Yea Chicago’s defense had a solid day overall. They held a team that averaged 34 points per game last year to only 23, and kept them in check for most o the game.
That’s going to be their recipe for success this year, and it’s the reason they were in this game.
With that said, the defense still showed issues on 3rd down. It was especially bad in one 4th quarter sequence, when 3 straight 3rd downs ended with an 88 yard TD, a 40 yard completion, and a penalty for a 1st down. Good defenses have to be able to get off the field on 3rd down. To their credit, they did have a few big 3rd down plays earlier in the game, including a run stuff on 3rd and 1 to hold Atlanta to a field goal and a batted pass on 3rd and medium to force a punt.
That 88 yard touchdown on 3rd down was particularly brutal. It looked like Matt Ryan was about to be sacked, then he had somebody uncovered down the field. The defense looked confused pre-snap, and somebody should have called a time out.
Quintin Demps missed a tackle on that 88 yard touchdown, and also missed a tackle for loss on 3rd down in the first half that would have forced a punt and instead turned into a 1st down conversion. He also may have blown the coverage on the long touchdown. To put it mildly, it was not a good debut for the veteran free agent who was supposed to stabilize the back of the defense.
Another area where the defense needs to improve is forcing turnovers. They came close on a few passes today, but weren’t able to finish the play. Forcing turnovers is the difference between a good defense and a great one.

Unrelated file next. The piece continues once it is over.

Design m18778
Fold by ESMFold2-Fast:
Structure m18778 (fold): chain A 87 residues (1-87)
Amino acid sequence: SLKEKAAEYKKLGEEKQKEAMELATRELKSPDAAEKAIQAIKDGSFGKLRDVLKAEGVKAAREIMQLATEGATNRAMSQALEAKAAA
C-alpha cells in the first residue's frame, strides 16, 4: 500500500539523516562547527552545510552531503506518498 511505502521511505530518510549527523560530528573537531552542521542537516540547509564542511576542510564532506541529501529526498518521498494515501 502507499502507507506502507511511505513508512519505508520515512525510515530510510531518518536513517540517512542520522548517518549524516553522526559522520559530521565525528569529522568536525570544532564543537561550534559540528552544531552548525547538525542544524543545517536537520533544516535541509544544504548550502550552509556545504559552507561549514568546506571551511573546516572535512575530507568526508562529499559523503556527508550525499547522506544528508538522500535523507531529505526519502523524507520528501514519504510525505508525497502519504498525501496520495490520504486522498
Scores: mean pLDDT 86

One area where the Bears’ defense excelled was in run defense. Atlanta ran it 22 times for 65 yards, only 3.0 yards per carry. That would have been the worst mark in the NFL last year, when the Falcons averaged 4.6 yards per carry, good for 5th in the NFL.
You have to give credit to Akiem Hicks, who had a monster game today after signing a monster contract yesterday. He picked up two sacks of Matt Ryan and single-handedly stuffed a running play on 3rd and 1 to hold Atlanta to a field goal. One thing to note is that Hicks made fewer impact plays later in the game as he seemed to wear down. The Bears might need to rotate their defensive linemen more to keep him fresher down the stretch of close games.
Switching over to offense, the running game looked really good. Chicago ran it 19 times for 125 yards, an outstanding 6.6 yards per carry. Credit the run blocking and running back duo of Jordan Howard and Tarik Cohen for making things happen even when Atlanta was keying in on the run.
Speaking of Tarik Cohen, he was a revelation in this game. He carried it 5 times for 66 yards, caught 8 passes for 47 yards and 1 TD, and returned 3 punts for 45 yards. He lined up all over the field: outside at WR, in the slot, at running back, and even at quarterback on one Wildcat play. Cohen was the Bears’ best playmaker on the day, and the Darren Sproles comparisons seemed more than fair. One thing to note: Cohen’s 16 touches are probably not sustainable given his small size. Sproles has averaged just under 11 touches per game on his career, which seems about right for Cohen too.
The Bears’ game plan through three quarters was incredibly conservative. They ran it a lot, and when they threw the passes were all short, mostly with pre-determined reads, and mostly aimed at running backs and tight ends. As a result, the passing game was comically ineffective. At one point late in the third quarter, Chicago had dropped back to pass 15 times and netted only 13 yards.